Kate and I just want to thank all of you who have been praying for us, sent healing or get well cards, made donations, or just thought about us kindly as we continue to work on healing the cancer imbalance inside of her. We are humbled by it all, and very grateful. We have seen that things are shaping up for the Site Nite benefit on our behalf (see below) scheduled for next Tuesday, October 2nd. (Our wedding anniversary, as it turns out.) Please understand that we are out of the loop entirely on its organization or execution and are unlikely to be there. We remain in Gratitude.
Today we find ourselves at yet another turning point, as a CT scan yesterday showed that the tumors in Kate’s belly have not responded at all to the rigorous chemotherapy. We won’t know for a few days if the cancer has possibly spread. The images also showed a bit more fluid around her lungs. This caused great concern to the radiologist there at Magee Women’s Hospital who relayed the news to her doctor. Orders were sent for us to go immediately to Shadyside Hospital, a place we had not yet been.
It was a surreal and almost comical moment when I was called back into the imaging center to find Kate, dressed in a hospital gown, socks, and baseball cap, surrounded by a circle of nurses in tense negotiation. As they apprised me of the situation, I insisted on talking with her doctor, who quickly called us back. He sheepishly said he had relied on the word of the radiologist that Kate was in “great distress” with respect to her breathing. I resisted the urge to speak for her, and instead looked over at her and asked if she was. She shook her head. “We drove her all the way over here from Burgettstown,” I said. “We’d feel better being somewhere they have her records and where you guys can easily get to her.” Her doctor laughed, and told us to come on over for her to be admitted through the ER. We spent the night apart.
This morning they drained 2 liters of that angry amber fluid from her chest. There is about one more in there they say, but as her lung expanded it caused what she called “the greatest pain I have ever felt in my life”. They had warned her that might happen, and stopped the procedure when she began to cough. Back in her room, she already feels much relieved and sounded good when I talked with her. The plan is to let her lung relax and reset itself and finish the procedure later.
Miraculously, she’s in good spirits and has gotten through three rounds of nasty chemo with very few side effects. That is hugely significant and showing us that something we and all of you are doing is supporting and helping her, but just not killing the cancer yet. The doctor is offering to try another kind of chemo, but has told us that he doesn’t really see that he has much to offer. We know that is only “one story” and shows the limitation of his resources.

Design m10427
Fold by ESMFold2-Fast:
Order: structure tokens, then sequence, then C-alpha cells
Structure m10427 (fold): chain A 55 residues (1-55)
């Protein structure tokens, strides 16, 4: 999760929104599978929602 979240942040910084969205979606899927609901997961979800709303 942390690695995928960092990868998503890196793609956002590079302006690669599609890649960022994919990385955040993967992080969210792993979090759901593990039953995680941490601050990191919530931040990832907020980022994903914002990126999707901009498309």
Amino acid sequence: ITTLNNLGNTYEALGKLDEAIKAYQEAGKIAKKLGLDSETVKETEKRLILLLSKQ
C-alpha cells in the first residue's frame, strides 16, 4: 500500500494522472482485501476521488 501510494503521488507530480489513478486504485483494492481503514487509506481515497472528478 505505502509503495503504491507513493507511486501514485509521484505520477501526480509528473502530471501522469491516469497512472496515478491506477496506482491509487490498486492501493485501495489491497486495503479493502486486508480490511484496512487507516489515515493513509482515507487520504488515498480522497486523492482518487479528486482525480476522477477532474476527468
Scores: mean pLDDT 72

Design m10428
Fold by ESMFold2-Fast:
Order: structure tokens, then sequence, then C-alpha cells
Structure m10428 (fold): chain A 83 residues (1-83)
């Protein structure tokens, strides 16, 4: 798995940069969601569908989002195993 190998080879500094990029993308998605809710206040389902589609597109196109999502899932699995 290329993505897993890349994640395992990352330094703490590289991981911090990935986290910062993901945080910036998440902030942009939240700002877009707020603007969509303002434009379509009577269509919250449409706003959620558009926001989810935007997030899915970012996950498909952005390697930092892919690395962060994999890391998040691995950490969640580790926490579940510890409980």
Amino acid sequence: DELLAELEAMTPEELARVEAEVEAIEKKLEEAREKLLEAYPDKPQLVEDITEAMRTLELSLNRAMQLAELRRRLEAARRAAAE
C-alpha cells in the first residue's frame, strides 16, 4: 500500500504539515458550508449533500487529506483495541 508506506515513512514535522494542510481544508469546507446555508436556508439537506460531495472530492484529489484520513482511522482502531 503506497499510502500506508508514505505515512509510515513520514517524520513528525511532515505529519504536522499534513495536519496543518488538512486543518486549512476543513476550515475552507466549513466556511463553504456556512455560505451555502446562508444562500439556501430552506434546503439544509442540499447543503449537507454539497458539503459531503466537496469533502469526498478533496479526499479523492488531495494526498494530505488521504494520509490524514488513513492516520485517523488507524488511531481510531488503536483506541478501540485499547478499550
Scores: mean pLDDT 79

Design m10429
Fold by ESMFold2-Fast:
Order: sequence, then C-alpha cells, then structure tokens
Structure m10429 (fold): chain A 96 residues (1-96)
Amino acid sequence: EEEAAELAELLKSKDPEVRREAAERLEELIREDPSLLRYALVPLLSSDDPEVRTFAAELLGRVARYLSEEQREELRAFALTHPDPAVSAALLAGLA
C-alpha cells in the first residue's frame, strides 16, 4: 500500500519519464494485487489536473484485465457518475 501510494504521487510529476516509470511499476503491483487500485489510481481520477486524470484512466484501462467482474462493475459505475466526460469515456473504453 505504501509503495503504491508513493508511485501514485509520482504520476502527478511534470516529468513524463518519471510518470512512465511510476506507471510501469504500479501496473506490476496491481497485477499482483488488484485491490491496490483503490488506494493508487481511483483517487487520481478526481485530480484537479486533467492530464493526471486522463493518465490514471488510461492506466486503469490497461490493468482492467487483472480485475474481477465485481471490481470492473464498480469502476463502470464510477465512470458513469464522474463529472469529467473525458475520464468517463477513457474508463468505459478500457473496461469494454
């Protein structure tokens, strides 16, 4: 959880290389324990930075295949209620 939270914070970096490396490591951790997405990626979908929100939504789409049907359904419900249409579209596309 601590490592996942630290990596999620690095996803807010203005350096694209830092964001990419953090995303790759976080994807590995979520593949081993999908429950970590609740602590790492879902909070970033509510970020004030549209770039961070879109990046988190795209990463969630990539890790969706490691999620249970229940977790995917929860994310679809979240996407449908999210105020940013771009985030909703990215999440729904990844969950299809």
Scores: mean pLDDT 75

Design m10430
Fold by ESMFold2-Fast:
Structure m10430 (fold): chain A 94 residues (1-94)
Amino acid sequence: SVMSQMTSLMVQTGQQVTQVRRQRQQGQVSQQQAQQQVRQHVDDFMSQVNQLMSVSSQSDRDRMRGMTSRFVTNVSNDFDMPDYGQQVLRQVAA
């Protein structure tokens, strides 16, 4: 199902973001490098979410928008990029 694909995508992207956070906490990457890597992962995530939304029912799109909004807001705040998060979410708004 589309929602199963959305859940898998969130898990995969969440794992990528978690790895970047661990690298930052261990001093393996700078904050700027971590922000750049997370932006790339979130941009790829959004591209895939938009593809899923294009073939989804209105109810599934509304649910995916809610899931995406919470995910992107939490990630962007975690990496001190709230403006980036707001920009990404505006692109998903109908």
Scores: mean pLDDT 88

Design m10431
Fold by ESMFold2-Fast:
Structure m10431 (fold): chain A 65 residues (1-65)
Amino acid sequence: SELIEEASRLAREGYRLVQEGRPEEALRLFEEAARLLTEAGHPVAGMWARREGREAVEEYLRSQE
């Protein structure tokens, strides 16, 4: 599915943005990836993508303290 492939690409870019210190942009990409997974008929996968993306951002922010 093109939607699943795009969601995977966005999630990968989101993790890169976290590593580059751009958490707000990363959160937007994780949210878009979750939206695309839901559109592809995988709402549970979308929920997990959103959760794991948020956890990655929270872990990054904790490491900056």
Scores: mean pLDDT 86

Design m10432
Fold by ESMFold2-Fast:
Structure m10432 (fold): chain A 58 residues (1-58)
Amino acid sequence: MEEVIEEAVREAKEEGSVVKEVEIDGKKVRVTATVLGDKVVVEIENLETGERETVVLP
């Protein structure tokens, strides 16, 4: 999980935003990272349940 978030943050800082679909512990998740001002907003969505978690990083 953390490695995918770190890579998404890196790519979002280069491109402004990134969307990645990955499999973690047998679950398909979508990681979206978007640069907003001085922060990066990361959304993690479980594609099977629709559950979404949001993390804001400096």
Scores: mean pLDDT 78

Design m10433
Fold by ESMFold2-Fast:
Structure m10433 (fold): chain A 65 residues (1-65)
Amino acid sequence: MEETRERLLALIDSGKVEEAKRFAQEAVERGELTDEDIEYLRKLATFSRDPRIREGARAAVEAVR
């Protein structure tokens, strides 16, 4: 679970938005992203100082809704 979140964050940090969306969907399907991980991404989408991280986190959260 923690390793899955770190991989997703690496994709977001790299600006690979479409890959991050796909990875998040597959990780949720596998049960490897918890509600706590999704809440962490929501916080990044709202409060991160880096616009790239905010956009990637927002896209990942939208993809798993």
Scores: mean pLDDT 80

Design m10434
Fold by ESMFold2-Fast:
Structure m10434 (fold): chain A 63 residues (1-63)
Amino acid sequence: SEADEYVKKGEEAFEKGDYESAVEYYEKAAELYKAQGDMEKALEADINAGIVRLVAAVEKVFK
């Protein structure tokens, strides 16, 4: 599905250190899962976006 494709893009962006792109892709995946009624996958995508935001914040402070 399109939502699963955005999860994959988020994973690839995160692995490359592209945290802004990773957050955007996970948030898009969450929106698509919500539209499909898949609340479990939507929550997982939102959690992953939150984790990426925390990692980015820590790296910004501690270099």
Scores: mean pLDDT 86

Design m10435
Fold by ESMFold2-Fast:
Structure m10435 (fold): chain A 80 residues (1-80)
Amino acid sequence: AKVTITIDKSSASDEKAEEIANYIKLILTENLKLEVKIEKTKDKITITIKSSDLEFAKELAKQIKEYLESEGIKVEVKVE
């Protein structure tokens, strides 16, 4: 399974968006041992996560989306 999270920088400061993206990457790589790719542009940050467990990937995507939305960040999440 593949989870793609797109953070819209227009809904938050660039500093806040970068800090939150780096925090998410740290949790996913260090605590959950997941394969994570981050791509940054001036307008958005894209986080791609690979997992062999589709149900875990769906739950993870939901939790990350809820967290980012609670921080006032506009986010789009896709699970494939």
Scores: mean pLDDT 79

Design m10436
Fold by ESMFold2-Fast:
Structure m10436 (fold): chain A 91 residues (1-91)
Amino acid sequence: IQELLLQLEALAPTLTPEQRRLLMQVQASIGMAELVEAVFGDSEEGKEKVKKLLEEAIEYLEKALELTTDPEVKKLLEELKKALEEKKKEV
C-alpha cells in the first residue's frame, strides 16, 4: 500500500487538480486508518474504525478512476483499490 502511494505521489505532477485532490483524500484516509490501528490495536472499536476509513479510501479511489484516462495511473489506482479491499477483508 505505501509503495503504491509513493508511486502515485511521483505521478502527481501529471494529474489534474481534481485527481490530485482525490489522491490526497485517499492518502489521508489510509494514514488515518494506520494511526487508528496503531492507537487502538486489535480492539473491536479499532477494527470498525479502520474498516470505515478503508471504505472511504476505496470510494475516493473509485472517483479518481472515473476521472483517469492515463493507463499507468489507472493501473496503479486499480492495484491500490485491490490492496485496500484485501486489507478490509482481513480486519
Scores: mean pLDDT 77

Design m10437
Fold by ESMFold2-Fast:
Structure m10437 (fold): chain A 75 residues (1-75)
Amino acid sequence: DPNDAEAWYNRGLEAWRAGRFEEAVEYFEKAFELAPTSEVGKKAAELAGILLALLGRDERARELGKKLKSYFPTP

That leads us to some kind of “Plan B”, but we really don’t know what that is just yet. We have seen and heard many stories of people who have beaten pancreatic cancer, but there is nothing that sticks out as the magic cure for her. We are grateful to all of you who have sent web links, phone numbers, doctors’ names, diet plans, or suggested the Cancer Centers of America. We are considering everything and listening to our intuition—resisting the urge to do it with “all our might”. We still see the need for an MD on board in case she needs pain relief or a hospital procedure. Ultimately, Kate will choose what to do next.
What we see is that more than one path still exists for Kate. Life and death are both on the table. This is confounding, yet still gives us hope that no doors are closed and healing can come in an instant. This points to a part of Divine Plan that has not yet been revealed. It still seems absurd to me that she would leave when our work together is so obviously unfinished. In moments of despair, I have tried to imagine what that would be like. I can’t.
Kate is being a real trooper about it all, and I am so proud of her. As we drove through the pouring rain from Pittsburgh back to Sewickley hospital during rush hour, we found ourselves at a starkly similar place to that rainy day in mid July when the cancer was first discovered. Kate pointed at the road ahead of us and made a reference to my image of “The Unknown” as a blank chalkboard: “I’m keeping my blackboard looking like that dark, shiny wet highway in front of us,” she said. “I’m doing my best not to write anything on it.” I promised to do the same.
I have posted a schedule for our beloved Mesa Creative Arts Center for October and November on our website. It was hard for me to remove her name from saved write-ups I pasted in from previous seasons, knowing that no matter what, she is unlikely to be there much this fall. I toyed with the idea of leaving it there just for its lovely energy, but didn’t want people to expect her to be teaching any particular class and be disappointed. We ask that everyone be patient with us if we have to cancel something at the last moment, or if you drive out to see us and find the gift shop closed. Remember that we are still thinking and praying about you, too.